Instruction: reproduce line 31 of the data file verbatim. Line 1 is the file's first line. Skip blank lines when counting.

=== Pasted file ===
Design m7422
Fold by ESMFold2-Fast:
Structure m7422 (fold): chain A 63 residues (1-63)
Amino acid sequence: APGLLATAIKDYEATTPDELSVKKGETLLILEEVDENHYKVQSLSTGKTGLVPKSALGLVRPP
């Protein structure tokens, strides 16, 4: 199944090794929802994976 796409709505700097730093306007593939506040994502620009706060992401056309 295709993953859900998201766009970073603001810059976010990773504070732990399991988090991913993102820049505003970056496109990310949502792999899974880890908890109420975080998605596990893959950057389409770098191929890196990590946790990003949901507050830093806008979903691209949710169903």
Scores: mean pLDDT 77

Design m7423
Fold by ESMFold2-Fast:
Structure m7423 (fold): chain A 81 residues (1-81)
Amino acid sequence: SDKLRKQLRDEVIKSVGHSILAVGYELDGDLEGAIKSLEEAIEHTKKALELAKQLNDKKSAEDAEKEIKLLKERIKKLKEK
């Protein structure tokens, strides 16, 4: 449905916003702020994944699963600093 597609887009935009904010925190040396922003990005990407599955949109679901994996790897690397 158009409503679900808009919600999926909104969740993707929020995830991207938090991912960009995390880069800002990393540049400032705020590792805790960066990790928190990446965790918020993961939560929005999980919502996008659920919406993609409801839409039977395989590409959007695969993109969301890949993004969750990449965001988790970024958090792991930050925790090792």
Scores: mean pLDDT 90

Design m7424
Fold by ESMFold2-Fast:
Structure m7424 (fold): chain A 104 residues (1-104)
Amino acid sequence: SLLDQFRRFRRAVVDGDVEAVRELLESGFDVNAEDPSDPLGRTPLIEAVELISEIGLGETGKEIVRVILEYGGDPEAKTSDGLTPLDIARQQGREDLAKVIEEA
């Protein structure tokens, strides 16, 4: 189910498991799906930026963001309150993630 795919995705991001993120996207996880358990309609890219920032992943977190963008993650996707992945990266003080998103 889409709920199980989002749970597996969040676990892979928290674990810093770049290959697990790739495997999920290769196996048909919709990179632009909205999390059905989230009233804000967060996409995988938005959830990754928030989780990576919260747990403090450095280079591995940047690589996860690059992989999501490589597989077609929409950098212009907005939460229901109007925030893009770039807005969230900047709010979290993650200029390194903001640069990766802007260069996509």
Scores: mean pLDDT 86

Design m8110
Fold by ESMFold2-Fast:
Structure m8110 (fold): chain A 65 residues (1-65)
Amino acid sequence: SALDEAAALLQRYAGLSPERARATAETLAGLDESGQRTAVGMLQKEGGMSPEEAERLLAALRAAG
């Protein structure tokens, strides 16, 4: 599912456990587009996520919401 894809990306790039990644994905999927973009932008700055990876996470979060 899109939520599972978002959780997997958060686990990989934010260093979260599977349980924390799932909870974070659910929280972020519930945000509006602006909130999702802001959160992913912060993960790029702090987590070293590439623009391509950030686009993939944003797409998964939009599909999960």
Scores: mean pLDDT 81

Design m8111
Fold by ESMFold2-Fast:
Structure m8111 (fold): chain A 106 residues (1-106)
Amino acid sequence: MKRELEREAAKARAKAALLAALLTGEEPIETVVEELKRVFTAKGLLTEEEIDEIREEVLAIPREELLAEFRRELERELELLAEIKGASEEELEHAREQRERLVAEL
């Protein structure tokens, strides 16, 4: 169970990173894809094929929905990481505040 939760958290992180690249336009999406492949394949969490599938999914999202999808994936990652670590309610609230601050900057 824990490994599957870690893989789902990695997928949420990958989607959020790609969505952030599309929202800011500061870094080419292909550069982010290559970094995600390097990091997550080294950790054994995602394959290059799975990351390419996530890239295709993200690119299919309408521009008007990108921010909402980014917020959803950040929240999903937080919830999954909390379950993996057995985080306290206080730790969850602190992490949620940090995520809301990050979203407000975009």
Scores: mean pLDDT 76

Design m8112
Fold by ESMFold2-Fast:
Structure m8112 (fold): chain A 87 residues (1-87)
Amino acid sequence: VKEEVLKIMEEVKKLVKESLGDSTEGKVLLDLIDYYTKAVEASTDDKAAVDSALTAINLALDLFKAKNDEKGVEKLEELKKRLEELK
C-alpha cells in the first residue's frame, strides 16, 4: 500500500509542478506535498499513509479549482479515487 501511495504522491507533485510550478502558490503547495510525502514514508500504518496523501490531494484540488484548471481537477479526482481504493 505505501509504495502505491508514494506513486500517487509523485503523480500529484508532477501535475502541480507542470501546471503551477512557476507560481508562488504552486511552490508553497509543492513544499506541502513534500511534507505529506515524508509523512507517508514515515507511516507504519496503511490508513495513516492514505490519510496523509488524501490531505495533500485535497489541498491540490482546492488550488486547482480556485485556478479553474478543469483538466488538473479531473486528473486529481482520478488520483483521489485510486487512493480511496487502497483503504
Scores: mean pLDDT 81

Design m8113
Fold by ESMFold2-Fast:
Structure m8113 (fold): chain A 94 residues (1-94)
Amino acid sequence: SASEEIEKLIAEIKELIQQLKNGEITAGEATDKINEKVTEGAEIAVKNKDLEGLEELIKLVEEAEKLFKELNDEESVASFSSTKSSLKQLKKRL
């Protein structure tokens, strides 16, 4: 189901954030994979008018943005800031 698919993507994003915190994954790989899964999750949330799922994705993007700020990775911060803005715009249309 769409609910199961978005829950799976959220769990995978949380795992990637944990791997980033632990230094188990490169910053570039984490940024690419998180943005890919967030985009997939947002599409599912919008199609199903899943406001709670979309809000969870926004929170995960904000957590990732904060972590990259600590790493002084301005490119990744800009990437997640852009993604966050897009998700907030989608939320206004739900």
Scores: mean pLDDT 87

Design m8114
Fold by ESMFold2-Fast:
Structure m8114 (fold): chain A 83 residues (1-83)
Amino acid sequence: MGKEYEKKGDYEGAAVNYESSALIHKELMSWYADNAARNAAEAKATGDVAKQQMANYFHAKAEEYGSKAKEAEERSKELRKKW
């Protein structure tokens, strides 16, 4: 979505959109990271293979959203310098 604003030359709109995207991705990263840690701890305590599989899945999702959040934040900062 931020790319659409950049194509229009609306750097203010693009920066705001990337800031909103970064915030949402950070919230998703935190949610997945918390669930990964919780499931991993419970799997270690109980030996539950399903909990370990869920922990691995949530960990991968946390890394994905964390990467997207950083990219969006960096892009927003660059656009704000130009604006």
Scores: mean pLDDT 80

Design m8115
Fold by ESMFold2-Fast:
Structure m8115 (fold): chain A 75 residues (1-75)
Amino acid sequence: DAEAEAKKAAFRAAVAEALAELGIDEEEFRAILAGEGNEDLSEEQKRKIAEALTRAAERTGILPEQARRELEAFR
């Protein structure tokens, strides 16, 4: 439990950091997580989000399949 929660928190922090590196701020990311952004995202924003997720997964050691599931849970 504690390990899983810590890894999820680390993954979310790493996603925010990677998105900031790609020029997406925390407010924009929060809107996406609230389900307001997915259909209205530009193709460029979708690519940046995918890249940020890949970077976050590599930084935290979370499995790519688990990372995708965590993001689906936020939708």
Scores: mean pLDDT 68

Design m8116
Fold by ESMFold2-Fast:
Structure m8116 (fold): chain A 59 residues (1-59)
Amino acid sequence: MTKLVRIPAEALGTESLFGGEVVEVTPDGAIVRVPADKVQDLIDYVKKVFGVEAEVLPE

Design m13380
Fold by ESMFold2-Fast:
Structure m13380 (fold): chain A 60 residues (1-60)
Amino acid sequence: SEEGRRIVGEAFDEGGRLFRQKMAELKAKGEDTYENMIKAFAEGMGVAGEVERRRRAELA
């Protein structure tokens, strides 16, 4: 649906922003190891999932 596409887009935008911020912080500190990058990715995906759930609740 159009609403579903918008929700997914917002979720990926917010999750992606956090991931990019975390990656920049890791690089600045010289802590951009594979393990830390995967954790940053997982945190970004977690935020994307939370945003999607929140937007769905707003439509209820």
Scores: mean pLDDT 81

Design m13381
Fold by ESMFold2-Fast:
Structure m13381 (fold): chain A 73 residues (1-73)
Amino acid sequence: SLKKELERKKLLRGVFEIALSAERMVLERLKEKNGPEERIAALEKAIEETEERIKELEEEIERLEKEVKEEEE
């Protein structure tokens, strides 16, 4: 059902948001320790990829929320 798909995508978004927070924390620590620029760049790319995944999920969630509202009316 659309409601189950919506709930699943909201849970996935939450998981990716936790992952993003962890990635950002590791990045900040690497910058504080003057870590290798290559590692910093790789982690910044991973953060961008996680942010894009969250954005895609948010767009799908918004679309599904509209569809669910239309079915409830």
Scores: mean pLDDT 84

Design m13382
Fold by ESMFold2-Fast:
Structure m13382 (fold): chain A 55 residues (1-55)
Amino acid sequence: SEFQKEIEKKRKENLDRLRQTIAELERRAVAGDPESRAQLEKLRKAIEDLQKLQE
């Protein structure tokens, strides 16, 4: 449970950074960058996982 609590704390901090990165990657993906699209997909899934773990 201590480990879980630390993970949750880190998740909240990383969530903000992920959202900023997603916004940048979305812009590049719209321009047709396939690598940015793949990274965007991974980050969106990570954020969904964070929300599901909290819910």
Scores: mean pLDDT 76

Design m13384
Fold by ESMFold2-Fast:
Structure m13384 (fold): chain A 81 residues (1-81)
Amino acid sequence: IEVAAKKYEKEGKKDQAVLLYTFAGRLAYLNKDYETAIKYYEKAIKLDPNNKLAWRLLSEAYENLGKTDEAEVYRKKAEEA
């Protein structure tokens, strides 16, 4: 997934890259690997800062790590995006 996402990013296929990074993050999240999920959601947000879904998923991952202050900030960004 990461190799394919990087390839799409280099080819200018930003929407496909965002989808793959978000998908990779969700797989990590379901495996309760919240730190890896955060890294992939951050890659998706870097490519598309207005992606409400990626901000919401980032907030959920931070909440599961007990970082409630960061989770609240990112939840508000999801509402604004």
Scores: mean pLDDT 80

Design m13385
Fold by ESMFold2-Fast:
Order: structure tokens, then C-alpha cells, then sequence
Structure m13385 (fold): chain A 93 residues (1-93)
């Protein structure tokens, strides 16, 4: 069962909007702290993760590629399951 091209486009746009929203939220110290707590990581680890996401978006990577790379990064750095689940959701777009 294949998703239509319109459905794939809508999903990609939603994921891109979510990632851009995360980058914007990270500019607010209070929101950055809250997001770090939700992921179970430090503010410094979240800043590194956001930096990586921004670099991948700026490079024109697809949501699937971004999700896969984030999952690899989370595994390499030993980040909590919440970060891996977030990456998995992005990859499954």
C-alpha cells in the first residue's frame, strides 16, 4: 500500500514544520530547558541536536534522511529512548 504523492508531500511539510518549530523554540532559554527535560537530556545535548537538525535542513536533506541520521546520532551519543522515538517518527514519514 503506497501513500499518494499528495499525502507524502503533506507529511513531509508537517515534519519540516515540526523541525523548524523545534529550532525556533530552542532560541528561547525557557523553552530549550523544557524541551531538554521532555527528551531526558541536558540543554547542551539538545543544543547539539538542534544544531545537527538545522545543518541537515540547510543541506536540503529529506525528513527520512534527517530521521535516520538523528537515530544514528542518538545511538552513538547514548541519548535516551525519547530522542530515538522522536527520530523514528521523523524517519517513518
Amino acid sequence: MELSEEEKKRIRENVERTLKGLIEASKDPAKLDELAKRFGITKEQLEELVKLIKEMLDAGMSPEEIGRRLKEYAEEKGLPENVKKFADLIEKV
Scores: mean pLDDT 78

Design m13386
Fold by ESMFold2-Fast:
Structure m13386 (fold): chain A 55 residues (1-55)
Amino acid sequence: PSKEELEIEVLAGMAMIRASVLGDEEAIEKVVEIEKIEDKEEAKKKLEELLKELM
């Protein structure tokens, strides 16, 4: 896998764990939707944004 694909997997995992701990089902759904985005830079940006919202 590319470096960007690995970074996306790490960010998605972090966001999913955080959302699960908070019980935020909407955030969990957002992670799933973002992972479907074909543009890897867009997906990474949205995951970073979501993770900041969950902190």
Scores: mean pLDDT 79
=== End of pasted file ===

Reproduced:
Design m8112